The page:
English as an additional language
STEMM: science, technology, engineering, math...and multimedia?
Volume 86 Number 7, October 2011; Pages 46–49
Present education policy promotes STEM subjects heavily. This focus is understandable, but it should not see multimedia studies set aside as 'expensive fluff'. Multimedia and technological literacy programs should be regarded as a vital part of the curriculum. The skills and knowledge of multimedia students span the fields of physics, engineering, maths, ICT, writing, art and music. Multimedia studies equip students with skills relevant to over 230 different careers; most of them have higher than average growth expectations, though not all of them are commonly thought of as part of the media industry. While a basic level of digital literacy is now essential for processes such as job searches and job applications, it also underpins 21st century activities such as using social media, preparing a video resume, or branding using a QR code. Nicole Pinkard has argued that those without such skills 'may soon be considered illiterate'. The need for the technological and digital literacy provided by multimedia has driven the US Government to set up a dedicated department Digitalliteracy.gov. A key white paper, Digital and Media Literacy: A Plan of Action, recommends the integration of digital and media literacy at all levels of education, through collaborative arrangements across all tiers of government. It recommends that public libraries and other community centres be funded as centres for training in these literacies, with particular reference to adult training. Multimedia studies do more than simply apply reading and writing to contemporary media: they also stimulate students' reading and writing activities by situating them in real-world contexts that provide immediate and authentic feedback. These contexts also discipline students to make messages 'clear, concise and compelling'. Multimedia studies prepare students for an information environment characterised by 'lack of certainty and conformity' in which students must learn to 'navigate in a buzz of confusion' and determine for themselves which sources to trust. These studies develop skills in solving complex problems. The information, communication and media environments of students have changed profoundly, and refusing to accept this fact 'is at best tragic'.
Subject HeadingsInformation and Communications Technology (ICT)
Volume 71 Number 1, August 2011; Pages 15–18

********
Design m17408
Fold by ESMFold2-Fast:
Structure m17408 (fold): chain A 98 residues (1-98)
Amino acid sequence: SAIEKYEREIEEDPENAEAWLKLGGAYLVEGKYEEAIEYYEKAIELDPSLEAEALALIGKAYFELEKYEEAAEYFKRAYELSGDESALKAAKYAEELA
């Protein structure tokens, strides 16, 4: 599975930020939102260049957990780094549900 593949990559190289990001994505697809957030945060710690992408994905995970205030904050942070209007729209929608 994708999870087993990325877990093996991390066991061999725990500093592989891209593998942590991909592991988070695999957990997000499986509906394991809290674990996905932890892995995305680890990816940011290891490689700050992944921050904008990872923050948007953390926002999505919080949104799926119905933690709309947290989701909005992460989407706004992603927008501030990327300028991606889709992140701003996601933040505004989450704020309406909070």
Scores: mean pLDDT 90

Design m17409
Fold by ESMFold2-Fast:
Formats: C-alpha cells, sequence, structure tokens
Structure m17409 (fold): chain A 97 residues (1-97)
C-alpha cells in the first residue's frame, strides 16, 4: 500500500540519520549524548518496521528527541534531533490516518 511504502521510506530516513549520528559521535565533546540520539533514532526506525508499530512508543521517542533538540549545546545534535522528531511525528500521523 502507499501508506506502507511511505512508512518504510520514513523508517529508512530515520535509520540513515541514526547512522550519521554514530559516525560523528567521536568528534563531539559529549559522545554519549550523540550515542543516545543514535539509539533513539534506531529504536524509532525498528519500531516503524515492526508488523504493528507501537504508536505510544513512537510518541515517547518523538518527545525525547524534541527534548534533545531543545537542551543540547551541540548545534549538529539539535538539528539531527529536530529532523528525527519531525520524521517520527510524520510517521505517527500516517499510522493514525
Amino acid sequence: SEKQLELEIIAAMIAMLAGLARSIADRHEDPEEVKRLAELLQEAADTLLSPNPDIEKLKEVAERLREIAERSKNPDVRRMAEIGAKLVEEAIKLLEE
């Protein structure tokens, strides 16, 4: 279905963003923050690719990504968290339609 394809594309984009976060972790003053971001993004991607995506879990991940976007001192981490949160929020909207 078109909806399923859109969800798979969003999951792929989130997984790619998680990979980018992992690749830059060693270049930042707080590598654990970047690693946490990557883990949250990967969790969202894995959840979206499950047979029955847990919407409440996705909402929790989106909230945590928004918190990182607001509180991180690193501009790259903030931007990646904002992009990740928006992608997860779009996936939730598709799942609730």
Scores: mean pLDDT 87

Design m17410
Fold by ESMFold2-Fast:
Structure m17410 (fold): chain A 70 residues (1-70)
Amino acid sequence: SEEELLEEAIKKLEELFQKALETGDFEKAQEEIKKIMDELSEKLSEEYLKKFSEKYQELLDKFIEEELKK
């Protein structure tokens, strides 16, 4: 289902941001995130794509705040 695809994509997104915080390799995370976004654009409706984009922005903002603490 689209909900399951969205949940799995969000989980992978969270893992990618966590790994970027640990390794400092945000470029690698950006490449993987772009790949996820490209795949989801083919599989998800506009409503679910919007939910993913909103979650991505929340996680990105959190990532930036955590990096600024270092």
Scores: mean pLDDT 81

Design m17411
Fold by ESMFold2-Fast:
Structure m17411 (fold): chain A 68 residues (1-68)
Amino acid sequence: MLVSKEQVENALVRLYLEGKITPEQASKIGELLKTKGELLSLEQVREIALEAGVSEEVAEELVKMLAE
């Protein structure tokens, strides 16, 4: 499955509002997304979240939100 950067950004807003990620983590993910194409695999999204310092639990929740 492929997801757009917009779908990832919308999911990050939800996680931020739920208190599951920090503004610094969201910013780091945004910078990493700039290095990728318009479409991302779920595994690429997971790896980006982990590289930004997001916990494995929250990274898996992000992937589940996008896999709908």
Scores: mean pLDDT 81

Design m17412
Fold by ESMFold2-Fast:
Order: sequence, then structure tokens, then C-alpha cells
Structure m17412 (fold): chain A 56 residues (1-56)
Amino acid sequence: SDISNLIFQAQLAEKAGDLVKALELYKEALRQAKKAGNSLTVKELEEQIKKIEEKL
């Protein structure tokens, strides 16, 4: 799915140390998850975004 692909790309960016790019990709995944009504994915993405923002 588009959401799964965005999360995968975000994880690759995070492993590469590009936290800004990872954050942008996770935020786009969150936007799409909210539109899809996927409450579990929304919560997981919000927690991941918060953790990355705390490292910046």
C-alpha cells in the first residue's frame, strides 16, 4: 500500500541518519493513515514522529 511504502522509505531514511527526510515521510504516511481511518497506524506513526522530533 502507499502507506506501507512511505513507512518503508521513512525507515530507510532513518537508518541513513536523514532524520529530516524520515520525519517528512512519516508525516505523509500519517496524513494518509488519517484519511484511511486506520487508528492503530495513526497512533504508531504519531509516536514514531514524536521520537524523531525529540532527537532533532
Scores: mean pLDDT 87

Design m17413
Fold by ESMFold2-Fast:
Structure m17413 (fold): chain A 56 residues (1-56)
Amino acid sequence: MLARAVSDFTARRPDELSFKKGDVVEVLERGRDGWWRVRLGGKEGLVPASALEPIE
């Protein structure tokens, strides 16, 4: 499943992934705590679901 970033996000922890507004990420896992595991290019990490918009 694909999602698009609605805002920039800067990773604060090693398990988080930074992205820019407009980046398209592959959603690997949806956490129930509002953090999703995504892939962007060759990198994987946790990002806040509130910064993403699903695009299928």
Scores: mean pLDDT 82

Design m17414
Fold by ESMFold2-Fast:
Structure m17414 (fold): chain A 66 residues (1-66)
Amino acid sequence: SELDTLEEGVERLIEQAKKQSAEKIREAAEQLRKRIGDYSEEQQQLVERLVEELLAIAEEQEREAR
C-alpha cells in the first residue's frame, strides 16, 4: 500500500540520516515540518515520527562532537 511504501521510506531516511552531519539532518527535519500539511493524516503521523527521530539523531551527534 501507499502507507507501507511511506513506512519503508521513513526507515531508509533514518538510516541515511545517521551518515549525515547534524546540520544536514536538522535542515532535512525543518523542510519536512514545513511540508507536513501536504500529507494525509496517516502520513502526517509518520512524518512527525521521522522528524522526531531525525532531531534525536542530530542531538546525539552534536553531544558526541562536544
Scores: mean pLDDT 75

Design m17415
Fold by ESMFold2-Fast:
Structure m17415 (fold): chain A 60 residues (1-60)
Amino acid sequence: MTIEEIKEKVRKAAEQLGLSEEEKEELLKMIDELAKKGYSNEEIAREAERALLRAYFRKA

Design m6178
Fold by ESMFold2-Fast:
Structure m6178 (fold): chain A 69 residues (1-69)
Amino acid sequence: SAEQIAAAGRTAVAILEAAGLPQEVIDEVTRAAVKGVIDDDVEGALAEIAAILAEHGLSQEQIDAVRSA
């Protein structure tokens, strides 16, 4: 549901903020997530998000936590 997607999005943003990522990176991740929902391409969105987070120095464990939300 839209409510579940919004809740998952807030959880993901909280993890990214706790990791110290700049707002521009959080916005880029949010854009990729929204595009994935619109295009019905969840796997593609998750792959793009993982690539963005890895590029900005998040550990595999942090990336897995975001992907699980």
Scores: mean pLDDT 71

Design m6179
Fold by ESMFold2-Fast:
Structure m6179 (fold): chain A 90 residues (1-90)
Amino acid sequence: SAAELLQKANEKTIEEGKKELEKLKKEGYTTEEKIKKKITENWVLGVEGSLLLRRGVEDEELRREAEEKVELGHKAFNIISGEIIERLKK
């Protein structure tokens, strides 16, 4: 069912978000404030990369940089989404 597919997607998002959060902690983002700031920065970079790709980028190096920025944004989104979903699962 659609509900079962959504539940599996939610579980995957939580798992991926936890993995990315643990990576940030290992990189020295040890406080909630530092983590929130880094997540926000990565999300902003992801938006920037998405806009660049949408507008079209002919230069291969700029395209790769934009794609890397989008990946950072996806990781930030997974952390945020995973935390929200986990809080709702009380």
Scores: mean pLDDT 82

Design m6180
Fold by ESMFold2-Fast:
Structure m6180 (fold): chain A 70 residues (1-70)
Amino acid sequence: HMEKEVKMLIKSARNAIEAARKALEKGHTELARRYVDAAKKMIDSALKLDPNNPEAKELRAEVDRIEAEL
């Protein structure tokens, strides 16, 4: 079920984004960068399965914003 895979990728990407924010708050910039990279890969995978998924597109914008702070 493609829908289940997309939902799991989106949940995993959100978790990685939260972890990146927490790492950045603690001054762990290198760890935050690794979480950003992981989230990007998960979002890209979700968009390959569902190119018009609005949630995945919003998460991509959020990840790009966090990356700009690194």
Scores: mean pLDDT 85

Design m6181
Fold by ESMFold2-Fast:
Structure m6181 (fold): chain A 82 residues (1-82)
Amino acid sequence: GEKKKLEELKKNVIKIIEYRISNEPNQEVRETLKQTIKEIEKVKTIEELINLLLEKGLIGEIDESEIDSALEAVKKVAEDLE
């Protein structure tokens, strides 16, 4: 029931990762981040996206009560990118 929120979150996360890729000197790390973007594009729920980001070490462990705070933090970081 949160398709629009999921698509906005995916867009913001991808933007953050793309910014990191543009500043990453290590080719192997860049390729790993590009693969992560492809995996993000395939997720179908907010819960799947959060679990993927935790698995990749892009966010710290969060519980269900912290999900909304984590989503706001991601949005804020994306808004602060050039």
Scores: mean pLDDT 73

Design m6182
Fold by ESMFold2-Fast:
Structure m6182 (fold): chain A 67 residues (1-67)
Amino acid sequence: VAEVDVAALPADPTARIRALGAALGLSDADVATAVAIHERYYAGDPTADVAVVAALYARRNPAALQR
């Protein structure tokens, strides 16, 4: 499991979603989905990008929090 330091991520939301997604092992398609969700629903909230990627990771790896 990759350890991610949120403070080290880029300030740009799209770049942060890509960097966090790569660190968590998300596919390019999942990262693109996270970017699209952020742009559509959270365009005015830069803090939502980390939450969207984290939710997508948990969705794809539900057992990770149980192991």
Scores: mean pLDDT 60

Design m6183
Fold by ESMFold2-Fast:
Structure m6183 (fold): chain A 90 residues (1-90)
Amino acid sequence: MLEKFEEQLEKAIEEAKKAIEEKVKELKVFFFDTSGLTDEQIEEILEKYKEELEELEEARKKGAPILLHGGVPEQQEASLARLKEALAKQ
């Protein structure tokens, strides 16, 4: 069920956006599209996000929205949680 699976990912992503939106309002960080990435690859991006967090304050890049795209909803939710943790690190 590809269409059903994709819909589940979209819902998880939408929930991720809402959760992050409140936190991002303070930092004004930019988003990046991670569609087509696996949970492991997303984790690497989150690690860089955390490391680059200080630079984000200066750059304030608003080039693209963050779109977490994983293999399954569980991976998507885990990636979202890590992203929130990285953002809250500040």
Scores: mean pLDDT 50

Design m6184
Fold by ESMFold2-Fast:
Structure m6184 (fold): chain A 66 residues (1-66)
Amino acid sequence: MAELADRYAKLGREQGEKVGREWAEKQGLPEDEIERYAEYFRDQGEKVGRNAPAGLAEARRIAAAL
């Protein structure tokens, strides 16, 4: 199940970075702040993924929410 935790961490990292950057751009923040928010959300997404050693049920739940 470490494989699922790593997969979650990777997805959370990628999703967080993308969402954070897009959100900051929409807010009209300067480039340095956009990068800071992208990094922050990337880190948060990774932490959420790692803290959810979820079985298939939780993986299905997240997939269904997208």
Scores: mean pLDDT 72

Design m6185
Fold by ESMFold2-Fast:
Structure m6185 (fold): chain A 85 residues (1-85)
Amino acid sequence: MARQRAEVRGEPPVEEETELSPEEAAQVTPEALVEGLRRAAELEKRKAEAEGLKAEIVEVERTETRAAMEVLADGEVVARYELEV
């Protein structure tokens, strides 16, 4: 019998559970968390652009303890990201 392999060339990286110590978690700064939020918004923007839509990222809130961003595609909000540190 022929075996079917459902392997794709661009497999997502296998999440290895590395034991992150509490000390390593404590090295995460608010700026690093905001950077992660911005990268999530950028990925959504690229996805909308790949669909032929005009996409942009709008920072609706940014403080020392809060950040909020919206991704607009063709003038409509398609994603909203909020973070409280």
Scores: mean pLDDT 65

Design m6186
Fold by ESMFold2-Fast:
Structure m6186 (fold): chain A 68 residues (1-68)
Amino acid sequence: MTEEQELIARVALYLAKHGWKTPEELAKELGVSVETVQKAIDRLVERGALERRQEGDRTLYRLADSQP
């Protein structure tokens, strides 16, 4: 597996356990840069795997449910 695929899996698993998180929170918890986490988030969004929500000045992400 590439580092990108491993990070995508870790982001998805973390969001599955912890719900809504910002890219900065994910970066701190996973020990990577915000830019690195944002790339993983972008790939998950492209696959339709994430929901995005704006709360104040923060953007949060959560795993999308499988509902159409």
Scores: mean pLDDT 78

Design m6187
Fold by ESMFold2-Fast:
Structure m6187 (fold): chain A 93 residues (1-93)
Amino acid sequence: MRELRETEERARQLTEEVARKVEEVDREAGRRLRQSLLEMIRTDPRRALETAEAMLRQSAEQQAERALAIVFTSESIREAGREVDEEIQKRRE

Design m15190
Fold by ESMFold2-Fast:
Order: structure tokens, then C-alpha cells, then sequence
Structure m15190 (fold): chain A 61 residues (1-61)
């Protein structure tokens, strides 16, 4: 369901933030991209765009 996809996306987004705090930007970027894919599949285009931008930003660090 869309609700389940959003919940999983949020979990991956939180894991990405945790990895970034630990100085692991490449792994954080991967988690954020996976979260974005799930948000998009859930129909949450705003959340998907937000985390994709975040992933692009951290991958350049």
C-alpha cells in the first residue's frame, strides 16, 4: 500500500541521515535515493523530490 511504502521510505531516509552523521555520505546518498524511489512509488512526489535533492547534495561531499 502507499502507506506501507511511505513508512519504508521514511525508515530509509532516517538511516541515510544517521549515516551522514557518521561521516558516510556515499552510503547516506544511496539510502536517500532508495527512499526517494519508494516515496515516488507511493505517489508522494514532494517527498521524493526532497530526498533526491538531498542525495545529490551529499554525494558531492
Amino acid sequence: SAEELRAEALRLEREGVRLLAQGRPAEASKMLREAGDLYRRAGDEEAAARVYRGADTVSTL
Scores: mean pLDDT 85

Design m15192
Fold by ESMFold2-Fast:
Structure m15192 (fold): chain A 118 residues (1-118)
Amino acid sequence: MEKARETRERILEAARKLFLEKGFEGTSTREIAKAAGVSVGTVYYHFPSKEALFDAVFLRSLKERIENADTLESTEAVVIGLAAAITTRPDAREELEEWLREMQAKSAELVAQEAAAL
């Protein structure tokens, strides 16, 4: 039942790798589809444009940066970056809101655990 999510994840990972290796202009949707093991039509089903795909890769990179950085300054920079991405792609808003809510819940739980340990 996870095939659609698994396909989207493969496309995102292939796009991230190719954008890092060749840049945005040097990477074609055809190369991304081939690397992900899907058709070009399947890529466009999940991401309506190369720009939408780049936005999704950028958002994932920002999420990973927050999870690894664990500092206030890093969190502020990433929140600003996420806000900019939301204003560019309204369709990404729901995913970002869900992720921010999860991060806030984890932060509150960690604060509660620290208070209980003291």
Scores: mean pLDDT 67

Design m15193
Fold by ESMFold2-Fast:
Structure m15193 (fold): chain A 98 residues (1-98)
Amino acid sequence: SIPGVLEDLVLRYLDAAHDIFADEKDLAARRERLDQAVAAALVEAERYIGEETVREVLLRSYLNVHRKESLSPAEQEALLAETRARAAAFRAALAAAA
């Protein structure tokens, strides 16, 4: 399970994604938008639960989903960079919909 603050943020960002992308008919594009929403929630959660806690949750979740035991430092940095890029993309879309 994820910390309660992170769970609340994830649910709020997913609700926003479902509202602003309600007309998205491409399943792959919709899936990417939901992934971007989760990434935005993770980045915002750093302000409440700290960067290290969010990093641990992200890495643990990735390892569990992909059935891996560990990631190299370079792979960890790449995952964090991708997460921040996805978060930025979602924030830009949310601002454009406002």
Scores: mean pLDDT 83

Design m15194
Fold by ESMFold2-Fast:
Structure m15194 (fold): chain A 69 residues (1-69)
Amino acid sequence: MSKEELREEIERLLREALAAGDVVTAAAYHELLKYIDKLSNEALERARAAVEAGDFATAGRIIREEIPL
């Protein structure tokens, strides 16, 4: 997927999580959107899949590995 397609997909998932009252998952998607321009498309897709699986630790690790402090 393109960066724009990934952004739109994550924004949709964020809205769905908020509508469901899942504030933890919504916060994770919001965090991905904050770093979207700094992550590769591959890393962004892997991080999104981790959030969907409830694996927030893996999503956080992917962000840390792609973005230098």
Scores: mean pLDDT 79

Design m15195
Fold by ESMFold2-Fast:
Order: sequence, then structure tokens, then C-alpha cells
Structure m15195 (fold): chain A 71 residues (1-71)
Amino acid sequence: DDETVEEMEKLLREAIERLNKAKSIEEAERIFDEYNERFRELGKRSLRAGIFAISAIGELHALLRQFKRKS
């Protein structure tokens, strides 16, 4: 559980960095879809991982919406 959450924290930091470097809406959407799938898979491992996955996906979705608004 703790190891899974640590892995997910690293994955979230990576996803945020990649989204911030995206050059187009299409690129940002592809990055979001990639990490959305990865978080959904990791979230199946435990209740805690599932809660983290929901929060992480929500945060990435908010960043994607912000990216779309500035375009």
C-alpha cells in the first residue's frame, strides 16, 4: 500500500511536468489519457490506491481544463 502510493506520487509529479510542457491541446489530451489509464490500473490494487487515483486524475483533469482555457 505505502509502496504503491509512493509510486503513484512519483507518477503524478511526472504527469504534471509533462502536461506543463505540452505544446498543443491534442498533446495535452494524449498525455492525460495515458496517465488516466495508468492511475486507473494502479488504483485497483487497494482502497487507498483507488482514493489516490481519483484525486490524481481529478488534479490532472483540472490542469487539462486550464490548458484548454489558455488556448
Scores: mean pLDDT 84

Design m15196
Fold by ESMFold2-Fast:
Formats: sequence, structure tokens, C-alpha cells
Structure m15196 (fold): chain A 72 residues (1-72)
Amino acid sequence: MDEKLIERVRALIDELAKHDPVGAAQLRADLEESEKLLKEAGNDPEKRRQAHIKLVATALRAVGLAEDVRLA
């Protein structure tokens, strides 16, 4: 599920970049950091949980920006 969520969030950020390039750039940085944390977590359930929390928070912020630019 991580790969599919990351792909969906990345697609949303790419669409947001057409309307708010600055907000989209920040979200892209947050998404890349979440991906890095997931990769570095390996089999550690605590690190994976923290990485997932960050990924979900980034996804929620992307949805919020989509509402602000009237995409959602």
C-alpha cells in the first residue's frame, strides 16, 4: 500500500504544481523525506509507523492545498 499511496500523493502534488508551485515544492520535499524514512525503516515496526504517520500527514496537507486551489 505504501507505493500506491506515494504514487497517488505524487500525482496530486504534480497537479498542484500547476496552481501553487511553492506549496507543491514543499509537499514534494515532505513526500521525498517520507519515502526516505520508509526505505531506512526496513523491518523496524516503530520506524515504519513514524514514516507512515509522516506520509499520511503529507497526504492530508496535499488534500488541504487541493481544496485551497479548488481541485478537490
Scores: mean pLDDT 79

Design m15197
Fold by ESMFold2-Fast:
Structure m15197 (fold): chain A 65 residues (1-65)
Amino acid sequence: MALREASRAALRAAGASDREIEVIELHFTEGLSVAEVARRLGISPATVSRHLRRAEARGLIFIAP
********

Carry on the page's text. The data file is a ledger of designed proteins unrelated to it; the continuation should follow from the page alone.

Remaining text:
A robotics project in Ohio has challenged middle school students to develop 21st century skills and knowledge. The project, an interdisciplinary unit involving a health class and a technology class, called on students to design and program a robot in small teams. The technology students, in pairs, had to design and assemble the initial robot using a commercial software and hardware package. The entire technology class subsequently met to receive further instruction in programming, after which the teams retested their creations. Each team was now warned that they would have to take apart the robot and reassemble it later. To help them prepare for this task they were permitted to take three photographs of the robot. Over the same time period, students in the health class were working on and developing techniques in non-verbal communication. On the first day of the project proper, the technology and health classes met together. Four-student teams were created, each member with a specific role: a 'creative director' and 'architect' from the technology class, and a 'builder' and 'tech consultant' from the health team. The teams were now told to reconstruct the robots, with two significant constraints: there was to be no speaking at all, and the technology students were not to touch the robot. The teams were to communicate using non-verbal techniques only, including use of the three photographs. Students were also allowed access to two class blogs, one covering technical questions and responses, run by the technology teacher, the other covering communication issues, run by the health teacher. On the second and third days students were required to reprogram the robot's movements. The four-student teams were split: the tech consultant and architect undertook the reprogramming, and the creative director and builder tested the program in an adjoining room. They communicated with the reprogrammers through posts and drawings on a third blog. Students found some relief from the project's demands through a 'confessional' activity: they faced a camera in seclusion, and had to articulate their frustrations and suggest ways to address them. The most successful teams invented creative forms of communication, devised ways to maximise one another's contributions, and persisted. Teams were assessed on the final products, member participation, creativity, construction and programming. Students were also assessed individually on the knowledge and skills they had acquired. The article discusses revisions to the project, making use of more refined communication software, and a link to the project website.